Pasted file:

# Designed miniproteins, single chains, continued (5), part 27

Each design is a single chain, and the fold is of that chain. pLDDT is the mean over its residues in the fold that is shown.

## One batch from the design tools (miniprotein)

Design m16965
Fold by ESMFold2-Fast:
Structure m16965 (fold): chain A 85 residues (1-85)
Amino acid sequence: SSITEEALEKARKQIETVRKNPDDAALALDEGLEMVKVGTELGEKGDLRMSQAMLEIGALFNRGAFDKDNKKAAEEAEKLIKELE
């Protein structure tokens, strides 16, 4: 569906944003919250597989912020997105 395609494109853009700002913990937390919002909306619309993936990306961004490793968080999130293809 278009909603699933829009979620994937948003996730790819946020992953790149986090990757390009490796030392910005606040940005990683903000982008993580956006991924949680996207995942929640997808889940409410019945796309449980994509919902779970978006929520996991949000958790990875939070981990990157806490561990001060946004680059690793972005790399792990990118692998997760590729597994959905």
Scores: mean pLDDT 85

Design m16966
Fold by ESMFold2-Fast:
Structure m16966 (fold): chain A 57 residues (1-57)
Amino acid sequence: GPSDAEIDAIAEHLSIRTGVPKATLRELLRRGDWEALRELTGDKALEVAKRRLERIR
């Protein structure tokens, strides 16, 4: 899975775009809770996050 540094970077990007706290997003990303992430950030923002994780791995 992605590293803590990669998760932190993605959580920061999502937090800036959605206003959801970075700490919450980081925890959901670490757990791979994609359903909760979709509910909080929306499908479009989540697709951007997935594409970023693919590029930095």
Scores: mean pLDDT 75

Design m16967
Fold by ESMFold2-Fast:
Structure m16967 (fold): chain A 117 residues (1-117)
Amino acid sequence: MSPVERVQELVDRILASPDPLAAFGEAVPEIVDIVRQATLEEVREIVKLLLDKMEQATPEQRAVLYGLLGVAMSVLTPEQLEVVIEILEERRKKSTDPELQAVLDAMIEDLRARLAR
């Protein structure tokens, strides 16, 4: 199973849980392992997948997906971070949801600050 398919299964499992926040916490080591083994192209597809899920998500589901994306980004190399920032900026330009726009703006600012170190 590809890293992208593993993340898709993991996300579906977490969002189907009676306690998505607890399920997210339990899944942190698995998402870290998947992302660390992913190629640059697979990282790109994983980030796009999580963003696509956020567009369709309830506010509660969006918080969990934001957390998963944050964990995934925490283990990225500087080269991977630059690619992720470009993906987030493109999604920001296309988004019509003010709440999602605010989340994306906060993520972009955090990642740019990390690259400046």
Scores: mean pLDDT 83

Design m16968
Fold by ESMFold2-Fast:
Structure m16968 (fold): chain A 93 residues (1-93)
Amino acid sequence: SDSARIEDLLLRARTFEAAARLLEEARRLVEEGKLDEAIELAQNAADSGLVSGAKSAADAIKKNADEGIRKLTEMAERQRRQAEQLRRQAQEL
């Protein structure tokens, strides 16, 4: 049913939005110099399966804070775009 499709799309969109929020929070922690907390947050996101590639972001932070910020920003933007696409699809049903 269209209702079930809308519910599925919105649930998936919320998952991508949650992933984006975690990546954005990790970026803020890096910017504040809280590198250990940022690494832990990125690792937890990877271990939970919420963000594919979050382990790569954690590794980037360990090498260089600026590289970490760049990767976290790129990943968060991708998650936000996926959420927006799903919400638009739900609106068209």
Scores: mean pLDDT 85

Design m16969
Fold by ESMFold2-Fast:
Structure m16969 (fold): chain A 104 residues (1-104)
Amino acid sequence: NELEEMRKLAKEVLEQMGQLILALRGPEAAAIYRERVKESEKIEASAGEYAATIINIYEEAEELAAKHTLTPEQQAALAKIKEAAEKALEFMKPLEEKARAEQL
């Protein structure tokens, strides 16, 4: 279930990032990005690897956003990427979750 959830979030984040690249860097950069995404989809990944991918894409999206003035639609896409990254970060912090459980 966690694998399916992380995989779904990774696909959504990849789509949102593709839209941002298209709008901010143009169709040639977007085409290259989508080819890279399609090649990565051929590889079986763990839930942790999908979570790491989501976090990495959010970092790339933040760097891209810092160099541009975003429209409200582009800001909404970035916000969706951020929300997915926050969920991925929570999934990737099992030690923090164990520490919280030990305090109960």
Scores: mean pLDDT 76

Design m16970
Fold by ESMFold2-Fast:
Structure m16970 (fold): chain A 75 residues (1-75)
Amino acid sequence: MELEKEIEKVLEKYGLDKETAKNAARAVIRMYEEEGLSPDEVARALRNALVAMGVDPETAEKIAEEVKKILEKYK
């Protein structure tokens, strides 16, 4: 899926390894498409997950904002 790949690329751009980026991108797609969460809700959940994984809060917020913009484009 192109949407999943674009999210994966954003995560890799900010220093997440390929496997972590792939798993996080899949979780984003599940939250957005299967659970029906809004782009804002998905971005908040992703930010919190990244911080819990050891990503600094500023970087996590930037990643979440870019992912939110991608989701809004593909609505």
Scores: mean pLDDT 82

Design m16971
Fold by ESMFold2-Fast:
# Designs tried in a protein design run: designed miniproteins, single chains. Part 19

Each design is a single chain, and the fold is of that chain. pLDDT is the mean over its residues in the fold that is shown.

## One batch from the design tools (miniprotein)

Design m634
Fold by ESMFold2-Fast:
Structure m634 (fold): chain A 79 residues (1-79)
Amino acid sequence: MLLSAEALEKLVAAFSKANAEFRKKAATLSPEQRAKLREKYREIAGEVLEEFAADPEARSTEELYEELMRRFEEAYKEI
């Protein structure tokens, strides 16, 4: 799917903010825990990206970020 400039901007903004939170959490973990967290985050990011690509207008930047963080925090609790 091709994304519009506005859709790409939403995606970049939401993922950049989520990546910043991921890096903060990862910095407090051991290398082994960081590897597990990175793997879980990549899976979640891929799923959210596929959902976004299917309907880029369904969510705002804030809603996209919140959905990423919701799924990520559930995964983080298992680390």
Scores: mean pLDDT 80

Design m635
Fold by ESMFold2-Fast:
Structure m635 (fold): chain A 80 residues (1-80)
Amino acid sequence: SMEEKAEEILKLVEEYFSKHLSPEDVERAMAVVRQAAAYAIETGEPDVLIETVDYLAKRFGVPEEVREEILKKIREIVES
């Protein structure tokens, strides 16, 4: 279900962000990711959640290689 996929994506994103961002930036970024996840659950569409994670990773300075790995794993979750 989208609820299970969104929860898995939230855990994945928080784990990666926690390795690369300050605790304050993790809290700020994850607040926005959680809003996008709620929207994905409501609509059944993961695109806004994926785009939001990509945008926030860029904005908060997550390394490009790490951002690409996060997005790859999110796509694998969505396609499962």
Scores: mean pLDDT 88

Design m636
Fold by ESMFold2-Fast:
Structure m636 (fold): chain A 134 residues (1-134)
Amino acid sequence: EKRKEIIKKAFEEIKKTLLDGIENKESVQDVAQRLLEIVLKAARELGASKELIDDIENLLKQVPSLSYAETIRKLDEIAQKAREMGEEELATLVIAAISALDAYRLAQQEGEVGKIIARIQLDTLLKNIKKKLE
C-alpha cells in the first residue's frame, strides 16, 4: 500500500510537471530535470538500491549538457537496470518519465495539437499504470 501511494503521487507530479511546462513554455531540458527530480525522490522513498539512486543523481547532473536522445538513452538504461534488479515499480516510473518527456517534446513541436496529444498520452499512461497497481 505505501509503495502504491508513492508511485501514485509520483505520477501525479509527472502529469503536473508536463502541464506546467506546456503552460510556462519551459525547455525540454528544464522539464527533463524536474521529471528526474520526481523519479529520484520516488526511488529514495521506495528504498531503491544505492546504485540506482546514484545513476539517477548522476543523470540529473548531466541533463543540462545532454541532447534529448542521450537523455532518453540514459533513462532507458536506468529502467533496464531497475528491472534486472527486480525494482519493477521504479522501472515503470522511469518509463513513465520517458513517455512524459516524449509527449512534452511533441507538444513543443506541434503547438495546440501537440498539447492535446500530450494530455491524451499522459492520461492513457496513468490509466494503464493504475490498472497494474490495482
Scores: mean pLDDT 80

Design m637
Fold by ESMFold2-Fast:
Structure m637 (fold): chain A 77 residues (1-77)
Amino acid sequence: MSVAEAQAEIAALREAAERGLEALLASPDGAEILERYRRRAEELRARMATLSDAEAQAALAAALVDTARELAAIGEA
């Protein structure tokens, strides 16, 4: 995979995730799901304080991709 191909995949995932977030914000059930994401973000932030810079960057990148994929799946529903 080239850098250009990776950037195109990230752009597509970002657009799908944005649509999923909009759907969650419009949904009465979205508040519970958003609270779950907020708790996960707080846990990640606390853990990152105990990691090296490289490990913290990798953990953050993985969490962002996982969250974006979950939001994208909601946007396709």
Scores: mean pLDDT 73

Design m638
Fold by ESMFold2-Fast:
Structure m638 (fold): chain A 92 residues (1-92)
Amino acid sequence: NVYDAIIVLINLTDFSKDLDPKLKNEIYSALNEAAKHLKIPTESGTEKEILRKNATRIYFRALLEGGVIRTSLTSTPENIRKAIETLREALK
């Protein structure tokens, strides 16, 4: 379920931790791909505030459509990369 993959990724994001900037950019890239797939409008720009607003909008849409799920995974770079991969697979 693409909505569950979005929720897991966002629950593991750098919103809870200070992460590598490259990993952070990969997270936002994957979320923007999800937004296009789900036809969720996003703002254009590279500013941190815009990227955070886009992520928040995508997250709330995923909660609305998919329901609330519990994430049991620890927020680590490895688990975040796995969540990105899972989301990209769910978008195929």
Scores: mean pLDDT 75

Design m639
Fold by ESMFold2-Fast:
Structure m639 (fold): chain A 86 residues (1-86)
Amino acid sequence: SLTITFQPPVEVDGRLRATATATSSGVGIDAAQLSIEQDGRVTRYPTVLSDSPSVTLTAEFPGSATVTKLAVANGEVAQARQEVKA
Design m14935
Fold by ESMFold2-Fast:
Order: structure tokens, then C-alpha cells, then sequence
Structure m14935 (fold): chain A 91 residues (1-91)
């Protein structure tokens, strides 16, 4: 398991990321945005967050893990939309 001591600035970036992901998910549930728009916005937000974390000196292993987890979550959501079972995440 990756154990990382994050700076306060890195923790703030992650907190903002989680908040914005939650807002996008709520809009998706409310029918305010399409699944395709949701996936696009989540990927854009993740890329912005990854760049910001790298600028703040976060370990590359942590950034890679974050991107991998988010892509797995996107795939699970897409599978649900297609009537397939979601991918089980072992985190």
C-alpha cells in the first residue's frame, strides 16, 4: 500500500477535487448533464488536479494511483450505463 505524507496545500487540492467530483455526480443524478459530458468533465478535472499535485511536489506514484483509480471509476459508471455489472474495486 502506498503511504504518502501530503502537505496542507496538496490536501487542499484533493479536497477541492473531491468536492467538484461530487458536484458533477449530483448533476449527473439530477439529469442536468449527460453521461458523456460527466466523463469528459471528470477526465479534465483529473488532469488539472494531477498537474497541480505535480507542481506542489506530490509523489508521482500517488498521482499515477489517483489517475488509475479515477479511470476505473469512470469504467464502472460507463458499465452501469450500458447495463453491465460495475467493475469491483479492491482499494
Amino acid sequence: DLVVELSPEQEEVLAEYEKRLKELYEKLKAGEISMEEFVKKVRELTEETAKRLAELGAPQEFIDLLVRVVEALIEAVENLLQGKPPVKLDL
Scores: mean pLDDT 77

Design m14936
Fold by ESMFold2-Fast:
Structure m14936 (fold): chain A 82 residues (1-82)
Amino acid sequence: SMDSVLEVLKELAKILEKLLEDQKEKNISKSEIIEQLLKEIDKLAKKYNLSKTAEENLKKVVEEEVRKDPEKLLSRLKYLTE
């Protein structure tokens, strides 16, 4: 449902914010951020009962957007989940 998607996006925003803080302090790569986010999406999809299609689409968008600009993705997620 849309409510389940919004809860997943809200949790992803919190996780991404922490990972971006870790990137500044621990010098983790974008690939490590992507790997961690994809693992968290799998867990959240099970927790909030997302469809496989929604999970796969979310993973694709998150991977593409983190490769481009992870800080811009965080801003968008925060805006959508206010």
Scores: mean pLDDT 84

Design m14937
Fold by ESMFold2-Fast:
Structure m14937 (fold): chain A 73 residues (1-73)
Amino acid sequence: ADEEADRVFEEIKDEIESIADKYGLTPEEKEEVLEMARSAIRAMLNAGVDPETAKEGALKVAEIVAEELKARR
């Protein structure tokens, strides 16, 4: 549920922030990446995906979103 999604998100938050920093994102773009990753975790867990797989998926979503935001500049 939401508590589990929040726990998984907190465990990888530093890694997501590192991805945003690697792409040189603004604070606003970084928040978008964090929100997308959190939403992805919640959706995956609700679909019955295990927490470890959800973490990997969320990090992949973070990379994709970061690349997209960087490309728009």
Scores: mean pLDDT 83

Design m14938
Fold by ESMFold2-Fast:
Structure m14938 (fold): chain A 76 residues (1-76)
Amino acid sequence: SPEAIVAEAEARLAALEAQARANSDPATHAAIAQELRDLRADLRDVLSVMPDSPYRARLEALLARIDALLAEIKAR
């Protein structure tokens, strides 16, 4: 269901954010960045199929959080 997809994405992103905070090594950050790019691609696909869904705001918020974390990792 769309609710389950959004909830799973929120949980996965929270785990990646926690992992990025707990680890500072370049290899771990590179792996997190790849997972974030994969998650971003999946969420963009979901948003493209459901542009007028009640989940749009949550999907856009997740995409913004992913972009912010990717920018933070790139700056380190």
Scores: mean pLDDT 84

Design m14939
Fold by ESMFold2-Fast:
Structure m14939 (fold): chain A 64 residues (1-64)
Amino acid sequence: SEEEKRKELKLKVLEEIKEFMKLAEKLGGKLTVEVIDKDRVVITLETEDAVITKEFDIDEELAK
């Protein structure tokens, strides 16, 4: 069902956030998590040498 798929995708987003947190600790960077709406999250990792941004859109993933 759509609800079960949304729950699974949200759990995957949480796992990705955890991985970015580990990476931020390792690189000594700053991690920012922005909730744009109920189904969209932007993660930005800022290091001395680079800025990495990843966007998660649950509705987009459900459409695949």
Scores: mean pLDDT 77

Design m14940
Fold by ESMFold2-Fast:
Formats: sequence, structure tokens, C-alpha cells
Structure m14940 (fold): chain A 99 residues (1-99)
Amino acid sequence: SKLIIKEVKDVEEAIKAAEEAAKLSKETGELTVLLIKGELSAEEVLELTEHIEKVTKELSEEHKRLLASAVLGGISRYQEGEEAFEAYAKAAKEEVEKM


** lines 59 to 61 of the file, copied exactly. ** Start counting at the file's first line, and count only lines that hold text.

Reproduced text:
Structure m636 (fold): chain A 134 residues (1-134)
Amino acid sequence: EKRKEIIKKAFEEIKKTLLDGIENKESVQDVAQRLLEIVLKAARELGASKELIDDIENLLKQVPSLSYAETIRKLDEIAQKAREMGEEELATLVIAAISALDAYRLAQQEGEVGKIIARIQLDTLLKNIKKKLE
C-alpha cells in the first residue's frame, strides 16, 4: 500500500510537471530535470538500491549538457537496470518519465495539437499504470 501511494503521487507530479511546462513554455531540458527530480525522490522513498539512486543523481547532473536522445538513452538504461534488479515499480516510473518527456517534446513541436496529444498520452499512461497497481 505505501509503495502504491508513492508511485501514485509520483505520477501525479509527472502529469503536473508536463502541464506546467506546456503552460510556462519551459525547455525540454528544464522539464527533463524536474521529471528526474520526481523519479529520484520516488526511488529514495521506495528504498531503491544505492546504485540506482546514484545513476539517477548522476543523470540529473548531466541533463543540462545532454541532447534529448542521450537523455532518453540514459533513462532507458536506468529502467533496464531497475528491472534486472527486480525494482519493477521504479522501472515503470522511469518509463513513465520517458513517455512524459516524449509527449512534452511533441507538444513543443506541434503547438495546440501537440498539447492535446500530450494530455491524451499522459492520461492513457496513468490509466494503464493504475490498472497494474490495482